Gilit Mesopotamian Arabic
Gilit Arabic
Mesopotamian Gelet Arabic
Southern Mesopotamian Arabic
اللهجة العراقية‎
Native toIraq, Iran, Syria, Turkey
Speakers19 million (2020)[1]
Arabic alphabet
Language codes
ISO 639-3acm Mesopotamian Arabic

Gilit Mesopotamian Arabic,[2] also known as Iraqi Arabic,[2][1] Mesopotamian Gelet Arabic,[1] or simply Mesopotamian Arabic[2][1] is one of the two main varieties of Mesopotamian Arabic, together with North Mesopotamian Arabic.[1][3][4]

Relationship to North Mesopotamian

Mesopotamian Arabic has two major varieties: Gilit Mesopotamian Arabic and Qeltu Mesopotamian Arabic. Their names derive from the form of the word for "I said" in each variety.[5] Gilit Arabic is a Bedouin variety spoken by Muslims (both sedentary and non-sedentary) in central and southern Iraq and by nomads in the rest of Iraq. Qeltu Arabic is an urban dialect spoken by Non-Muslims of central and southern Iraq (including Baghdad) and by the sedentary population (both Muslims and Non-Muslims) of the rest of the country.[6] Non-Muslims include Christians, Yazidis, and Jews, until most of them left Iraq in the 1940s–1950s.[7][8] Geographically, the gelet–qeltu classification roughly corresponds to respectively Upper Mesopotamia and Lower Mesopotamia.[9] The isogloss is between the rivers Tigris and Euphrates, around Fallujah and Samarra.[9]

During the Siege of Baghdad (1258), the Mongols killed all Muslims.[10] However, sedentary Christians and Jews were spared and northern Iraq was untouched.[10] In southern Iraq, sedentary Muslims were gradually replaced by Bedouins from the countryside.[10] This explains the current dialect distribution: in the south, everyone speaks Bedouin varieties close to Gulf Arabic (continuation of the Bedouin dialects of the Arabian Peninsula),[10][11] with the exception of urban Non-Muslims who continue to speak pre-1258 qeltu dialects while in the north the original qeltu dialect is still spoken by all, Muslims and Non-Muslims alike.[10]

Gilit/qǝltu verb contrasts[12]
s-stem Bedouin/gilit Sedentary/qǝltu
1st SG ḏạrab-t fataḥ-tu
2nd m. SG ḏạrab-t fataḥ-t
2nd f. SG tišṛab-īn tǝšrab-īn
2nd PL tišṛab-ūn tǝšrab-ūn
3rd PL yišṛab-ūn yǝšrab-ūn


Gelet dialects include:[9]

  1. Northern Mesopotamian group
    1. Syrian šāwi dialects (including Urfa and al-Raqqah)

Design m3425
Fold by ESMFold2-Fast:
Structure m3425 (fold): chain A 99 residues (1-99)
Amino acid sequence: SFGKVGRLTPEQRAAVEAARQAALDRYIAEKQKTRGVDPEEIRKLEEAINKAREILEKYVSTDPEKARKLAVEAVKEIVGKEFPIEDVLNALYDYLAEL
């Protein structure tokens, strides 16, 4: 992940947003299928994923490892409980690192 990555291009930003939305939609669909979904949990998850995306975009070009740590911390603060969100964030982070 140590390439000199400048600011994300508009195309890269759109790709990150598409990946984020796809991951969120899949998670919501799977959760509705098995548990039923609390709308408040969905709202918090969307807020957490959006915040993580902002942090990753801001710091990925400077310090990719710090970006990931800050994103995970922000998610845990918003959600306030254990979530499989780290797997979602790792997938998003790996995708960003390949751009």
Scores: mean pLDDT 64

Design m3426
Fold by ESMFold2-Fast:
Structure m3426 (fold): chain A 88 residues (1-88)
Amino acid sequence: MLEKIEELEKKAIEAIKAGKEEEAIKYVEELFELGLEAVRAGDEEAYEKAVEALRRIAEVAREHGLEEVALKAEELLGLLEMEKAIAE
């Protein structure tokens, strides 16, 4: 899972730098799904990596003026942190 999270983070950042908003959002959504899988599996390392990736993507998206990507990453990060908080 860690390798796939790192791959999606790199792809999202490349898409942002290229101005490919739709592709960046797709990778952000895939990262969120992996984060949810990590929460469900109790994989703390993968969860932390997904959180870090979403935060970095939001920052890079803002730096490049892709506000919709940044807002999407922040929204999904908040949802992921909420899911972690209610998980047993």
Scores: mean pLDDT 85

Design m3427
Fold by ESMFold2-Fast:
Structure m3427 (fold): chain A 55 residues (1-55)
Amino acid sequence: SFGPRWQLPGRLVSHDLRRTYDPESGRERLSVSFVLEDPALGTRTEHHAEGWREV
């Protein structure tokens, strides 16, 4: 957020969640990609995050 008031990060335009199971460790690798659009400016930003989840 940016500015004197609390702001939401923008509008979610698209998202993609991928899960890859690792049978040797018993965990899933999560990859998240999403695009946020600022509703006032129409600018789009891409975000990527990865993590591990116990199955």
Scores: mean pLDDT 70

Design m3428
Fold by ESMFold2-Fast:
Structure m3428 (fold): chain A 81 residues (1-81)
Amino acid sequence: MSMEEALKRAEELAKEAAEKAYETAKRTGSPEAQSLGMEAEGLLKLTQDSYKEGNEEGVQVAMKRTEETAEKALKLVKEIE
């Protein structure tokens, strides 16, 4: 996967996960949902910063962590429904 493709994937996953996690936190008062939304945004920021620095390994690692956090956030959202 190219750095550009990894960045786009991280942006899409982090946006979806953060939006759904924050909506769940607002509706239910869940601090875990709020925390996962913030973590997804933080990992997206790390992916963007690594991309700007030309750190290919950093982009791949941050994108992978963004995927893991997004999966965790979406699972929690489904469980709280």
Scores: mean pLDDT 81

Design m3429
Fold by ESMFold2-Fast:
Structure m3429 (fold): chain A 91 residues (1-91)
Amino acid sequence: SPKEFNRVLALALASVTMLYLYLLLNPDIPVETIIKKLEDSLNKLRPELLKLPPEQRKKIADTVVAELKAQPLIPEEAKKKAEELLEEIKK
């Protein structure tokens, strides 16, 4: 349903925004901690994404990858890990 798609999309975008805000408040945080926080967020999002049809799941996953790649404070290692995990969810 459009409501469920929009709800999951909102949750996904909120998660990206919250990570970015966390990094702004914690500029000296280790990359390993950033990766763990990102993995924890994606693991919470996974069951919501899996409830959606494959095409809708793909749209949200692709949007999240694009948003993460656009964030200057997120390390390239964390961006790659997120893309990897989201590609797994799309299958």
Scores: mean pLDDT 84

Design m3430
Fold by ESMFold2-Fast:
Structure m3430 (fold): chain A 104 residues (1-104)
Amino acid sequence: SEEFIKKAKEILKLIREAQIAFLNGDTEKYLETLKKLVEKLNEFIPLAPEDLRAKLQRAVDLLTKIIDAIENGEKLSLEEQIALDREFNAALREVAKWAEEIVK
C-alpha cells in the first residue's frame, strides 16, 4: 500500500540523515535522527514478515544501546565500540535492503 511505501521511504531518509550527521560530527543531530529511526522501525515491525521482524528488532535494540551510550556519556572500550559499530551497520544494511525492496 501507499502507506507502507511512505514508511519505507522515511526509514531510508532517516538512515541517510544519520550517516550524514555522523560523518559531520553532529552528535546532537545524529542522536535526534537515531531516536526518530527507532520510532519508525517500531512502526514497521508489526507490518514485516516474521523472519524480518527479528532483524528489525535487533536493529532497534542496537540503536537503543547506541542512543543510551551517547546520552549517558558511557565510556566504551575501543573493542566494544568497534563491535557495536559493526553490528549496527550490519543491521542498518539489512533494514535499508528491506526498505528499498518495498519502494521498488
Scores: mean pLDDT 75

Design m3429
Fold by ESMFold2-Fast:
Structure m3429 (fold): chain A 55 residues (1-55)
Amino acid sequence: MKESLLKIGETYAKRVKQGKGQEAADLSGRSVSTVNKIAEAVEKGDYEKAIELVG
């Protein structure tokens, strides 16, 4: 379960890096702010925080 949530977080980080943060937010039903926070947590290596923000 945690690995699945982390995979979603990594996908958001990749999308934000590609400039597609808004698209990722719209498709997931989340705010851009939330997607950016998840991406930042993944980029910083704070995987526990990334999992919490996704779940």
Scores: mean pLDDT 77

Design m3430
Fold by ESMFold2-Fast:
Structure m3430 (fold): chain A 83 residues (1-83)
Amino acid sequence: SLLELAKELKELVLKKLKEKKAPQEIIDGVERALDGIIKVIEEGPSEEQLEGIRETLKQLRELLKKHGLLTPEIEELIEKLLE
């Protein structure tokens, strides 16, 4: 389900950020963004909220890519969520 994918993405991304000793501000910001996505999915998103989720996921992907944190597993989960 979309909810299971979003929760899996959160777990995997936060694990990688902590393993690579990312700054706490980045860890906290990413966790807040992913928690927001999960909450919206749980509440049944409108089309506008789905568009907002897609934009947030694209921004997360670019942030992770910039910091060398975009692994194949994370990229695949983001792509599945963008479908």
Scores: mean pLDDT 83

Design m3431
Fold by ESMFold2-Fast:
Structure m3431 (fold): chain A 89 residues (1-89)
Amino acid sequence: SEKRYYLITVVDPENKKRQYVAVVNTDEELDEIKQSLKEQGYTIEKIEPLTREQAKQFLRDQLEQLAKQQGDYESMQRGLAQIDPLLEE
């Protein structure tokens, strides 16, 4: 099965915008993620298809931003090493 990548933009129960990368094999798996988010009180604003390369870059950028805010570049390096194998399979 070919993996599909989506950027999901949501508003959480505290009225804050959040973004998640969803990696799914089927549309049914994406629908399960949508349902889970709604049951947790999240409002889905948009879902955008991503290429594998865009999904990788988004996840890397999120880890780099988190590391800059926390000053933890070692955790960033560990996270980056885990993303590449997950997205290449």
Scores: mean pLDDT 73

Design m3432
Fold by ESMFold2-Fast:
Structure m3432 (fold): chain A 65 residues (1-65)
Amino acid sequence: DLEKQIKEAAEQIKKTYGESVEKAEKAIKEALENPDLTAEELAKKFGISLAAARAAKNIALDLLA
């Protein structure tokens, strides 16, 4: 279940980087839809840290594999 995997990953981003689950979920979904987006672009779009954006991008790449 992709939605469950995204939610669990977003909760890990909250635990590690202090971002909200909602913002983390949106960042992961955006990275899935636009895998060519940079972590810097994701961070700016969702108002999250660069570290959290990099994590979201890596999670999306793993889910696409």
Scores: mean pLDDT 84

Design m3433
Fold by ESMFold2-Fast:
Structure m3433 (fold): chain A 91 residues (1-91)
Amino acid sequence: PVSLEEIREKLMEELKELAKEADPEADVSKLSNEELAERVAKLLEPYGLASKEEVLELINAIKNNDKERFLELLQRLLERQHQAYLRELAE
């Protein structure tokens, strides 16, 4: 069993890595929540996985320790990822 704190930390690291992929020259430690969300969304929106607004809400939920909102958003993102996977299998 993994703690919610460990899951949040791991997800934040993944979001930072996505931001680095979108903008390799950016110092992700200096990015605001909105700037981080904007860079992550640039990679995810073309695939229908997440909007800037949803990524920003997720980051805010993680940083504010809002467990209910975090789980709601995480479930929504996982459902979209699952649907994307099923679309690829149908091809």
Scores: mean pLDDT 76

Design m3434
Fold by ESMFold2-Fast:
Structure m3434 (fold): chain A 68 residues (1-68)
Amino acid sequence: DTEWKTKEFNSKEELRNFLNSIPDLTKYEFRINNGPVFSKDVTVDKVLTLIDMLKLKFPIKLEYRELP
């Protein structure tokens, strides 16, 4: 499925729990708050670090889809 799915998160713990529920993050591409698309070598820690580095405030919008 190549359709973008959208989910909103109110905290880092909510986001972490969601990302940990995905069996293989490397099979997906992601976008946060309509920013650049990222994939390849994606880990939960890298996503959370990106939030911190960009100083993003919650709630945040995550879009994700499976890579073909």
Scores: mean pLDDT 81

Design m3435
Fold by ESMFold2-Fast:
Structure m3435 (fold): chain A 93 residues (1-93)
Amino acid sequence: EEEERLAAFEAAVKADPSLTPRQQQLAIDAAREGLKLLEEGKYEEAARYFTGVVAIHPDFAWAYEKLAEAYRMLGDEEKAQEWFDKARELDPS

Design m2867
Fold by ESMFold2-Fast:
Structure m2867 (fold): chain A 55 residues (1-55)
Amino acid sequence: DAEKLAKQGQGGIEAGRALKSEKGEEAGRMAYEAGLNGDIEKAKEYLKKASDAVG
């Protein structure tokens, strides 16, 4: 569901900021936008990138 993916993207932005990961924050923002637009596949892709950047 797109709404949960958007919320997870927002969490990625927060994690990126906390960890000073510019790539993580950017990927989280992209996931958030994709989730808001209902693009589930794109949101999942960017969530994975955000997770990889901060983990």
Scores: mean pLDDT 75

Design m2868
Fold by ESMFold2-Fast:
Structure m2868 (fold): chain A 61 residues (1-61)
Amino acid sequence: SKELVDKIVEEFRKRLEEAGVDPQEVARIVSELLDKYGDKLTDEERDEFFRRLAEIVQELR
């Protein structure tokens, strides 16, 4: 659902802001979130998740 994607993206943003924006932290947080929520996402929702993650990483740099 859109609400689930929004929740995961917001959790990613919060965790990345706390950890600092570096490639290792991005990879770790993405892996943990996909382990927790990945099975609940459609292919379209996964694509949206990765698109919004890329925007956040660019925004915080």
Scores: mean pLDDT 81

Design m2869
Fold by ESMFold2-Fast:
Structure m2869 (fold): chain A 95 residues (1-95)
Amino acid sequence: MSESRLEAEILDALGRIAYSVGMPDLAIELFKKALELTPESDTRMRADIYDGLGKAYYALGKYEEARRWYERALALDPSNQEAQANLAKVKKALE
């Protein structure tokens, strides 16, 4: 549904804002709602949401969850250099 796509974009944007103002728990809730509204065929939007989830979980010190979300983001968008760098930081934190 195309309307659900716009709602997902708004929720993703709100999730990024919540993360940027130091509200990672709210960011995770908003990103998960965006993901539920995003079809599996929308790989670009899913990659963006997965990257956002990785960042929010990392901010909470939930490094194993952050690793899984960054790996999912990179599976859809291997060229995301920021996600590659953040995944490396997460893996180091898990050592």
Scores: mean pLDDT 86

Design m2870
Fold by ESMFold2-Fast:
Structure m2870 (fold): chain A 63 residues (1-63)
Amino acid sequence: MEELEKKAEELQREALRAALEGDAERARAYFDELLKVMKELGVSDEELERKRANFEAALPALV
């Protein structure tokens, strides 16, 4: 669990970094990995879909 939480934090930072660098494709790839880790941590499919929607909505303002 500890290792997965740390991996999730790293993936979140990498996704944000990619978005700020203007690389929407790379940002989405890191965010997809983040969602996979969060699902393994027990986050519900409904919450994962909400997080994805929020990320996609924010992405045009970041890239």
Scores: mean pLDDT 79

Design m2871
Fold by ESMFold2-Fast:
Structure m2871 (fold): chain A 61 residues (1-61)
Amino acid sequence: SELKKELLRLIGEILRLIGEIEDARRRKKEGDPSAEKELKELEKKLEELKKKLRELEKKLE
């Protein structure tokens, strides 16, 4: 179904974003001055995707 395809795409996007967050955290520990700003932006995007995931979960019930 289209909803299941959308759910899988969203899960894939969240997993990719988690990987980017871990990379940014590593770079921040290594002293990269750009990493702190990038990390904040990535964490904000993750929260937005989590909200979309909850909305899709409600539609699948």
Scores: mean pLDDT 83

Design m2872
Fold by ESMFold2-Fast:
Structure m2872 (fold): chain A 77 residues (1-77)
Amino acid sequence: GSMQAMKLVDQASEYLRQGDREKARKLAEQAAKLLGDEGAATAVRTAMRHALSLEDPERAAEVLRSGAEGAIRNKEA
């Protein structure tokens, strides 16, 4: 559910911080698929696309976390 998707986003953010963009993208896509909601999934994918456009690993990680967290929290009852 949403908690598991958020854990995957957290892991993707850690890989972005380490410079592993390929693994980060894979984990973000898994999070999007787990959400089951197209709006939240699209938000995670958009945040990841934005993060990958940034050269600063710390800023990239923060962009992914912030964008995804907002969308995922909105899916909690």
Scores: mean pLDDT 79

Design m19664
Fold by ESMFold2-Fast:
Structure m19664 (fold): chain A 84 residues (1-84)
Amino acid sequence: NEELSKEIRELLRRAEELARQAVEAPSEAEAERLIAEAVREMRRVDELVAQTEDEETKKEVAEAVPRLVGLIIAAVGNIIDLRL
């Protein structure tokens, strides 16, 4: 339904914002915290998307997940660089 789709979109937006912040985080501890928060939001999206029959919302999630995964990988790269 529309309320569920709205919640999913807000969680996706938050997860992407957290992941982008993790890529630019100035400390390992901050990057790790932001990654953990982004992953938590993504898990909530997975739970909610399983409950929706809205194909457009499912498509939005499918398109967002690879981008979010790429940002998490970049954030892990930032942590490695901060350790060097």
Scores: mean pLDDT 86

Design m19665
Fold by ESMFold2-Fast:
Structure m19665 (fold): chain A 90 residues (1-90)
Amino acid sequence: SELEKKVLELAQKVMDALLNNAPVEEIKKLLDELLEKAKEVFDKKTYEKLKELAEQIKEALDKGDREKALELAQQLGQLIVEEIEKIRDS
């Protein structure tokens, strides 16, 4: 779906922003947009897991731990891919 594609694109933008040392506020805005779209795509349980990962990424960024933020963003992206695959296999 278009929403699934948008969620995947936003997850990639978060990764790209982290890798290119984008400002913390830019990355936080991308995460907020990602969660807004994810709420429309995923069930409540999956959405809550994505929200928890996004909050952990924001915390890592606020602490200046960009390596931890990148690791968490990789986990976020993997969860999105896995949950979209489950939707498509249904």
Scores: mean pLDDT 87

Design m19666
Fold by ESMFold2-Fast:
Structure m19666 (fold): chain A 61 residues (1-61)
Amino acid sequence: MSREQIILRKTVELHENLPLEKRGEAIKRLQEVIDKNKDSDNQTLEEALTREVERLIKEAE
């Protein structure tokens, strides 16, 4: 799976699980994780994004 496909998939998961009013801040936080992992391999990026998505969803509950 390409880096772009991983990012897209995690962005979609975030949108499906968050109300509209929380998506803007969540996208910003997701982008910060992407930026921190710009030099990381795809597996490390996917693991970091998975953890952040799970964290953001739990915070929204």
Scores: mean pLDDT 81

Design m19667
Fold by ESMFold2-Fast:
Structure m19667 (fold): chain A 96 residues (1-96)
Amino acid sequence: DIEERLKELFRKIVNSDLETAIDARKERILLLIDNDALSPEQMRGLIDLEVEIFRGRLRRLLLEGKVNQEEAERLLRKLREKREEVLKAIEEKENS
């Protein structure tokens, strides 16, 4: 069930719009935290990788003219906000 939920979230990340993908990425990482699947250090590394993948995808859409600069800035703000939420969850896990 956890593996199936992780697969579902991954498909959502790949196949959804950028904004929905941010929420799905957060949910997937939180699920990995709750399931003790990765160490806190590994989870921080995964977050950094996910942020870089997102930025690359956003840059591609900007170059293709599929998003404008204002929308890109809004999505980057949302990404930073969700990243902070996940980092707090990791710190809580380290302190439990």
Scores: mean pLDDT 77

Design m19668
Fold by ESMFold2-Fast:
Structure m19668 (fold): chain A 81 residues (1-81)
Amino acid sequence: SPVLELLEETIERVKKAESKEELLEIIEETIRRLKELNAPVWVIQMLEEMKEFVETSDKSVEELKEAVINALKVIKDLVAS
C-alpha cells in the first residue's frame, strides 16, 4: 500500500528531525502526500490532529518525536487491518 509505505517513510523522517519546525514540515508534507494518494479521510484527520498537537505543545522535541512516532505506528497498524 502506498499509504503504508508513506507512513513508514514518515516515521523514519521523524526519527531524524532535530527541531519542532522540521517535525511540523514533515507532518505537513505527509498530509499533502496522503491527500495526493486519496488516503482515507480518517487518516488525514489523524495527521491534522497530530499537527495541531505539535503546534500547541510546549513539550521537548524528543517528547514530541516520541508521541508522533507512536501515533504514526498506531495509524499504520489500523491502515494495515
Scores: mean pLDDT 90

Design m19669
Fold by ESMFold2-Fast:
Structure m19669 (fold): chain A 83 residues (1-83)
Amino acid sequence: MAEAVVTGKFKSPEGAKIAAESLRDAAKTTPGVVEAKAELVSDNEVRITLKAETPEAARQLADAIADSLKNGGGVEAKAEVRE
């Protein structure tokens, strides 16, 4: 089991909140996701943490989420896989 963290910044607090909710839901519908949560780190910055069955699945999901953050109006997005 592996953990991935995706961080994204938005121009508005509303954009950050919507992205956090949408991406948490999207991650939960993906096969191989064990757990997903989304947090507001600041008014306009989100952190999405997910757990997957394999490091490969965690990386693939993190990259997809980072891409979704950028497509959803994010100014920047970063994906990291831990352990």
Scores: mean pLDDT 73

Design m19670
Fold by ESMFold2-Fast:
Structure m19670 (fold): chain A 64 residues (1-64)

2. Rural dialects of northern and central Iraq.
  2. Central Iraqi Group
    1. Muslim Baghdad Arabic
    2. The Sunni area around Baghdad
  3. Southern Iraqi and Khuzestani Arabic group
    1. Urban dialects
    2. Rural dialects
    3. Marshland dialects of the Marsh Arabs of the Mesopotamian Marshes
Baghdadi Arabic is Iraq's de facto national vernacular, as about half of population speaks it as a mother tongue, and most other Iraqis understand it. It is spreading to northern cities as well.[13] Other Arabic speakers cannot easily understand Moslawi and Baghdadi.[13]


  1. ^ a b c d e Gilit Mesopotamian Arabic at Ethnologue (25th ed., 2022) closed access
  2. ^ a b c "Glottolog 4.7 - Gilit Mesopotamian Arabic". Retrieved 2023-01-01.
  3. ^ Hassan, Qasim. "Reconsidering the Lexical Features of the south-Mesopotamian Dialects." Folia Orientalia 56 (2019).
  4. ^ Jasim, Maha Ibrahim (2020). Tafxi:m in the vowels of Muslawi Qeltu and Baghdadi Gilit dialects of Mesopotamian Arabic (Thesis thesis). Newcastle University.
  5. ^ Mitchell, T. F. (1990). Pronouncing Arabic, Volume 2. Clarendon Press. p. 37. ISBN 0-19-823989-0.
  6. ^ Jasim, Maha Ibrahim (2022-12-15). "The Linguistic Heritage of the Maṣlāwī Dialect in Iraq". CREID Working Paper 18. doi:10.19088/creid.2022.015.
  7. ^ Holes, Clive, ed. (2018). Arabic Historical Dialectology: Linguistic and Sociolinguistic Approaches. Oxford University Press. p. 337. ISBN 978-0-19-870137-8. OCLC 1059441655.
  8. ^ Procházka, Stephan (2018). "3.2. The Arabic dialects of northern Iraq". In Haig, Geoffrey; Khan, Geoffrey (eds.). The Languages and Linguistics of Western Asia. De Gruyter. pp. 243–266. doi:10.1515/9783110421682-008. ISBN 978-3-11-042168-2. S2CID 134361362.
  9. ^ a b c Ahmed, Abdulkareem Yaseen (2018). Phonological variation and change in Mesopotamia: a study of accent levelling in the Arabic dialect of Mosul (PhD thesis). Newcastle University.
  10. ^ a b c d e Holes, Clive (2006). Ammon, Ulrich; Dittmar, Norbert; Mattheier, Klaus J.; Trudgill, Peter (eds.). "The Arabian Peninsula and Iraq/Die arabische Halbinsel und der Irak". Sociolinguistics / Soziolinguistik, Part 3. Berlin/New York: Walter de Gruyter: 1937. doi:10.1515/9783110184181.3.9.1930. ISBN 978-3-11-019987-1.
  11. ^ Al‐Wer, Enam; Jong, Rudolf (2017). "Dialects of Arabic". In Boberg, Charles; Nerbonne, John; Watt, Dominic (eds.). The Handbook of Dialectology. Wiley. p. 529. doi:10.1002/9781118827628.ch32. ISBN 978-1-118-82755-0. OCLC 989950951.
  12. ^ Prochazka, Stephan (2018). "The Northern Fertile Crescent". In Holes, Clive (ed.). Arabic Historical Dialectology: Linguistic and Sociolinguistic Approaches. Oxford University Press. p. 266. doi:10.1093/oso/9780198701378.003.0009. ISBN 978-0-19-870137-8. OCLC 1059441655.
  13. ^ a b Collin, Richard Oliver (2009). "Words of War: The Iraqi Tower of Babel". International Studies Perspectives. 10 (3): 245–264. doi:10.1111/j.1528-3585.2009.00375.x.